Cost Considerations

Steel: One of the primary drawbacks of steel molds is their higher initial cost. The material itself is more expensive, and the manufacturing process involves complex machining and surface finishing. However, the long-term cost-effectiveness of steel molds can often outweigh the higher upfront investment, especially for large-scale production with extended mold life. The ability to withstand repeated use without significant wear and tear reduces the need for frequent mold replacements.

Aluminum: Aluminum molds are generally more affordable to produce than steel molds due to the lower cost of the material and the ease of machining. This cost advantage makes aluminum molds an attractive option for prototyping and low to medium production volumes. However, it’s essential to consider that the lifespan of aluminum molds is shorter, and they may require more frequent replacements in high-volume production scenarios. As such, the lower initial cost may be offset by higher maintenance and replacement expenses over time.

Cycle Time Efficiency

Steel: Steel molds have superior thermal conductivity compared to aluminum molds. This characteristic allows them to dissipate heat more effectively during the cooling phase of the injection molding process. As a result, steel molds can achieve faster cooling times, leading to shorter cycle times and increased production efficiency. The ability to produce more parts in less time is advantageous for manufacturers dealing with high demand and tight production schedules.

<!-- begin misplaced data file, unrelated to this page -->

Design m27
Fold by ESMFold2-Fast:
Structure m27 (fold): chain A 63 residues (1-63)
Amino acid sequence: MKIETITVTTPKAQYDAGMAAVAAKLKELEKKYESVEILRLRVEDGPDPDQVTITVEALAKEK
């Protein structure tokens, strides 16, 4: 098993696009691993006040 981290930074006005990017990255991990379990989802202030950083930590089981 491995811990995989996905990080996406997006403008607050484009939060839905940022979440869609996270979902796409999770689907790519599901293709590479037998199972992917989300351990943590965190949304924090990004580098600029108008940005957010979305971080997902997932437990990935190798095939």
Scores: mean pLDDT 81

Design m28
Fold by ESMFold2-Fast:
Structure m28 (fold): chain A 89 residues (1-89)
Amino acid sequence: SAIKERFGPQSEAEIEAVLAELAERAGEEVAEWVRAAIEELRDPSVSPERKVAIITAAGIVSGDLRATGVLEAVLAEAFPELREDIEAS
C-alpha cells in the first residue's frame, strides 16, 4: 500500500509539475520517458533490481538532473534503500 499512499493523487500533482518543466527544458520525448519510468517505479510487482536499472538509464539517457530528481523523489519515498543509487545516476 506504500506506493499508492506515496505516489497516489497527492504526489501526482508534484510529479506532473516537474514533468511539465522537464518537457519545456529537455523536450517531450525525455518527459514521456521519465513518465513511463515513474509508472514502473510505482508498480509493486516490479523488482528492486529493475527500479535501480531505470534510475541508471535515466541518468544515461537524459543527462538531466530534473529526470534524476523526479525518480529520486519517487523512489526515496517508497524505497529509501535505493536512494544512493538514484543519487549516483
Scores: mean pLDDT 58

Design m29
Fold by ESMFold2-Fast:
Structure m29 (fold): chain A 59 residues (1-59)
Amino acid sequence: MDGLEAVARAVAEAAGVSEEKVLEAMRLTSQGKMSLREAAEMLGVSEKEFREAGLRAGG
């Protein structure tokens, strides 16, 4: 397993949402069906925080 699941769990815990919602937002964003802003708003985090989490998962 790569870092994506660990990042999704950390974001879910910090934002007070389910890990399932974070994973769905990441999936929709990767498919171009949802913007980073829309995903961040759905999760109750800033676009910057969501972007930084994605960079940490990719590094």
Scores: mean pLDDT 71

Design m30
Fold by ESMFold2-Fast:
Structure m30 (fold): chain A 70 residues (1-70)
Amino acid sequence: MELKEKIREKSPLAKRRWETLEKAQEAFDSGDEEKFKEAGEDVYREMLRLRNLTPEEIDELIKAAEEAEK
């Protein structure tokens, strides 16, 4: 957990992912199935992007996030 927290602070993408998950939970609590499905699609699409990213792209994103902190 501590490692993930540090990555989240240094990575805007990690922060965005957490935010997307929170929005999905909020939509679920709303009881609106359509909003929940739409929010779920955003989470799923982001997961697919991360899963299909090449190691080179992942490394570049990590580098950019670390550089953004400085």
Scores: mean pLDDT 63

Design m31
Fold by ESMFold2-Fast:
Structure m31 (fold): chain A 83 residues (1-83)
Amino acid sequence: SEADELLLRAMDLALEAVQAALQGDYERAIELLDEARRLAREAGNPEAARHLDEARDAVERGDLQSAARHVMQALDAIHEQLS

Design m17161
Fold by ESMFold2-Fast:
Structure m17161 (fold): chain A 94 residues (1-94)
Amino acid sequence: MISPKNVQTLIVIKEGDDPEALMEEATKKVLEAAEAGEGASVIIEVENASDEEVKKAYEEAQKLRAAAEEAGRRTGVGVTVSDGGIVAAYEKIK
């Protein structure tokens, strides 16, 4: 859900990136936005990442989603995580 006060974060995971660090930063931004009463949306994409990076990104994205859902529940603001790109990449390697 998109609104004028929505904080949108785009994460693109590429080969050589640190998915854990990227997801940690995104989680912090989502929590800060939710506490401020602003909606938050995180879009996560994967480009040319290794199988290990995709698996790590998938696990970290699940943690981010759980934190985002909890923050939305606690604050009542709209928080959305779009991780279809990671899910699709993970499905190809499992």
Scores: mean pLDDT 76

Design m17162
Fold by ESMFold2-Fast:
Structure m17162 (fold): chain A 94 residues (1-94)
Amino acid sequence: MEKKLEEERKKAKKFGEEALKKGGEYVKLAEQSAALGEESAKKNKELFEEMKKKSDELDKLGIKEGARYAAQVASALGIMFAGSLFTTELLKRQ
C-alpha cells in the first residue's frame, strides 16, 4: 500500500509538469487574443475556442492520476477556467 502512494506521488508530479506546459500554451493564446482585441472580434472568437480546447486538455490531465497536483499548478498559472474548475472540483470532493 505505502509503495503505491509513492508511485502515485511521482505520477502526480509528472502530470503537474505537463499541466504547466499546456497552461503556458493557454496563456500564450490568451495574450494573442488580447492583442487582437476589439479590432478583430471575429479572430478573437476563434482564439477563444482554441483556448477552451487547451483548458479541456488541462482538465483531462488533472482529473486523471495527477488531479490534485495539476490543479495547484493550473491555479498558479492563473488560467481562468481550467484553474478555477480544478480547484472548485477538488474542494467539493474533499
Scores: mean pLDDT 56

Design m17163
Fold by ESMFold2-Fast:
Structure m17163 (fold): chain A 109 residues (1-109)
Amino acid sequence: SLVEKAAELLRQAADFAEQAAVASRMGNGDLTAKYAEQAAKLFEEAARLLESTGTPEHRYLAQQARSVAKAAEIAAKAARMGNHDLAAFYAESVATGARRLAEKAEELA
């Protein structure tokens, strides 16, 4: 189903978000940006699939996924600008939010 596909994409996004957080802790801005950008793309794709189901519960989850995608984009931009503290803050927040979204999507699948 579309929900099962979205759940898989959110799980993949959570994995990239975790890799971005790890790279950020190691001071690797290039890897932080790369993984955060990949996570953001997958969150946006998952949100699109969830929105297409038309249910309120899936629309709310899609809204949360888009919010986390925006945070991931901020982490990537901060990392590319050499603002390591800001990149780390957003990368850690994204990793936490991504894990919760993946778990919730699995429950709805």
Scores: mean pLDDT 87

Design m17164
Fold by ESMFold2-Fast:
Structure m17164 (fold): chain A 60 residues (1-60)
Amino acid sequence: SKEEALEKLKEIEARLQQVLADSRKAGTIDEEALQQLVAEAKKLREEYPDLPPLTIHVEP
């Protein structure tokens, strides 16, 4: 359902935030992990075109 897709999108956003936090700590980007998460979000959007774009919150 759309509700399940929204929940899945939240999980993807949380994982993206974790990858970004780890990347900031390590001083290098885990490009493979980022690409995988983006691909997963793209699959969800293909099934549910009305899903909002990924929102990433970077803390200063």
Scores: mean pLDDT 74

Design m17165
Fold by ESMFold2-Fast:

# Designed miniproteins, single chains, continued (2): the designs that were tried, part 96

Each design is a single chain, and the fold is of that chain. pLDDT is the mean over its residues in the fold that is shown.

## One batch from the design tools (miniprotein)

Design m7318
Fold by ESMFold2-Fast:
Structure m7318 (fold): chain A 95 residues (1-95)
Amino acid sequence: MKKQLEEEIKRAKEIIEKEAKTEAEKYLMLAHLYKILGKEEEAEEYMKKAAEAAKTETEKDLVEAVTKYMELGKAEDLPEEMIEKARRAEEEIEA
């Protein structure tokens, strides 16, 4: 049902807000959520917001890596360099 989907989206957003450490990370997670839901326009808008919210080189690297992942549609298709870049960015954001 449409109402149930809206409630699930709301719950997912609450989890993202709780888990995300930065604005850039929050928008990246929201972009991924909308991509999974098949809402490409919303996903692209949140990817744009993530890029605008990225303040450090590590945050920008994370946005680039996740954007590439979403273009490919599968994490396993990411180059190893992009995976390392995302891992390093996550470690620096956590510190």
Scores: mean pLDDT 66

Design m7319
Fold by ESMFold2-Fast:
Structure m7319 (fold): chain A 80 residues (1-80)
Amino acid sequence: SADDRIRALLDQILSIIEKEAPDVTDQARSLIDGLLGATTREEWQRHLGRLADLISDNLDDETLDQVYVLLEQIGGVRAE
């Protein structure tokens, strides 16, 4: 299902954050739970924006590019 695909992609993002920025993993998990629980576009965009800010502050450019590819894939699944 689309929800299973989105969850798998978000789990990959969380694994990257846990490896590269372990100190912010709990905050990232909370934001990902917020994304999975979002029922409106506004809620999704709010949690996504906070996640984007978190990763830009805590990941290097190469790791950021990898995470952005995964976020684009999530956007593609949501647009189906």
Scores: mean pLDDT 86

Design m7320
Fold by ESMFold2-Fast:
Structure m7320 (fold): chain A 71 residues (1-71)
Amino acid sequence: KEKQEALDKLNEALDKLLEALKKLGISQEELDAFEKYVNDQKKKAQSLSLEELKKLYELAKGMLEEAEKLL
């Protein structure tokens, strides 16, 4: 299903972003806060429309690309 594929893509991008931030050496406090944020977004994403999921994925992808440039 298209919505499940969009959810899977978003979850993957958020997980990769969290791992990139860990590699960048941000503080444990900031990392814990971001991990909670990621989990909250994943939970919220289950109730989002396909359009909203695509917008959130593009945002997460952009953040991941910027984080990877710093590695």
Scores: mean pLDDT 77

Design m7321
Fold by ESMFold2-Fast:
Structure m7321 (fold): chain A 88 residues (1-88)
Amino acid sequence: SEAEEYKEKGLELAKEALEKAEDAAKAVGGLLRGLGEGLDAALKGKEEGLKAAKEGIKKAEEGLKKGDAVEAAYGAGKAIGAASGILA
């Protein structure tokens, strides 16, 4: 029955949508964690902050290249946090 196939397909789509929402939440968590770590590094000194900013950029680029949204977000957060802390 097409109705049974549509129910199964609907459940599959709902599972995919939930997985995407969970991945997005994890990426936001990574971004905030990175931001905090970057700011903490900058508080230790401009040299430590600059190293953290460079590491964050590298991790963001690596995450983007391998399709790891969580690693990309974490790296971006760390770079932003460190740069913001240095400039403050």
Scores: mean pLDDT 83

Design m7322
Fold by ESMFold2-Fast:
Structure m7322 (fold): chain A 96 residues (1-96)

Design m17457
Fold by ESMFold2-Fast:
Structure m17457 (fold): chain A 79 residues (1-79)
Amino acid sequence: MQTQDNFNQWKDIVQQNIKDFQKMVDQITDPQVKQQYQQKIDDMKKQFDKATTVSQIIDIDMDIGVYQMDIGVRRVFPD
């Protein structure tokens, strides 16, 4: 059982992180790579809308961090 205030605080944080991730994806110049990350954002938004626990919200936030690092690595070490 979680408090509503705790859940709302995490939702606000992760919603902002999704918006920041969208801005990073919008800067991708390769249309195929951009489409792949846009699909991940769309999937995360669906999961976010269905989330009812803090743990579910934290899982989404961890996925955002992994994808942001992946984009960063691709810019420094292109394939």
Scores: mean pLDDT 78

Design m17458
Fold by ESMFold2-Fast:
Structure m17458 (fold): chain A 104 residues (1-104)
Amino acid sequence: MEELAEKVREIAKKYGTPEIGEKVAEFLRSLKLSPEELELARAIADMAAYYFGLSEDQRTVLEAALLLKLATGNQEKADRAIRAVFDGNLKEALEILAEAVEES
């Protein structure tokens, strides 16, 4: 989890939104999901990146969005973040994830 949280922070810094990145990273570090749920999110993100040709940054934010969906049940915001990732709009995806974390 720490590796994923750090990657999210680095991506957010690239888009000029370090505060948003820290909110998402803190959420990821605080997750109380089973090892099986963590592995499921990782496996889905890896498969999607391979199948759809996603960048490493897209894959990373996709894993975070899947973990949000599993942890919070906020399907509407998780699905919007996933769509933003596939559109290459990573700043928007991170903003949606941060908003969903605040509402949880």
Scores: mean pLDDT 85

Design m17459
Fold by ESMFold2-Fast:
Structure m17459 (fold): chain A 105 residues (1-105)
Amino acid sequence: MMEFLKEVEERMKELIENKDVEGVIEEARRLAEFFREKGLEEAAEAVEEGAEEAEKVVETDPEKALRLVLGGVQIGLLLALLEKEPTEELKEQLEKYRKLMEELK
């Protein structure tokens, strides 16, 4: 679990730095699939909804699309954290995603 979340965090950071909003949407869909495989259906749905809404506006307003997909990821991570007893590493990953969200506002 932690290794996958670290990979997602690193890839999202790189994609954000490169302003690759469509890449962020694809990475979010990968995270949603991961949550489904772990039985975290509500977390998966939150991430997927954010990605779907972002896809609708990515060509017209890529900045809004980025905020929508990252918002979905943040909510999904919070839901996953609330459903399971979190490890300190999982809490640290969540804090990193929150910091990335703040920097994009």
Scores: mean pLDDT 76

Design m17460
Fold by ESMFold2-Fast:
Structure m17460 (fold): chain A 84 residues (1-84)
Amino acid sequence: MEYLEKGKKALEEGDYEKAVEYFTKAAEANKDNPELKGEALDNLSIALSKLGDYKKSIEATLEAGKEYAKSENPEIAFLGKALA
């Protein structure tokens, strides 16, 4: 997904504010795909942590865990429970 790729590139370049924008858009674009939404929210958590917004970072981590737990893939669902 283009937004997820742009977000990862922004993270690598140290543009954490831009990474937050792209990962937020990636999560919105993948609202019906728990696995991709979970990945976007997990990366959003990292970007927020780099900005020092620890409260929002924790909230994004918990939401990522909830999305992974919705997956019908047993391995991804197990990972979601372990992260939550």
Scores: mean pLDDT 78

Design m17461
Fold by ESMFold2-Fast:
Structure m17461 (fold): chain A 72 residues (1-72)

Aluminum: Aluminum molds have lower thermal conductivity, which means they take longer to cool down after the injection phase. This results in longer cycle times compared to steel molds. While this might not be a significant concern for prototyping or low-volume production, it can become a bottleneck in high-volume manufacturing where efficiency and productivity are critical.

Surface Finish Quality

Steel: Steel molds are capable of achieving a smoother surface finish on the molded parts. This feature is crucial for applications where appearance, texture, or tight tolerances are essential. The smooth finish reduces the need for post-processing and enhances the overall aesthetics of the final product.

Aluminum: While aluminum molds can produce acceptable surface finishes, they may not match the level of smoothness achieved by steel molds. In some cases, additional post-processing, such as polishing or texturing, may be required to meet specific surface quality requirements.

Corrosion Resistance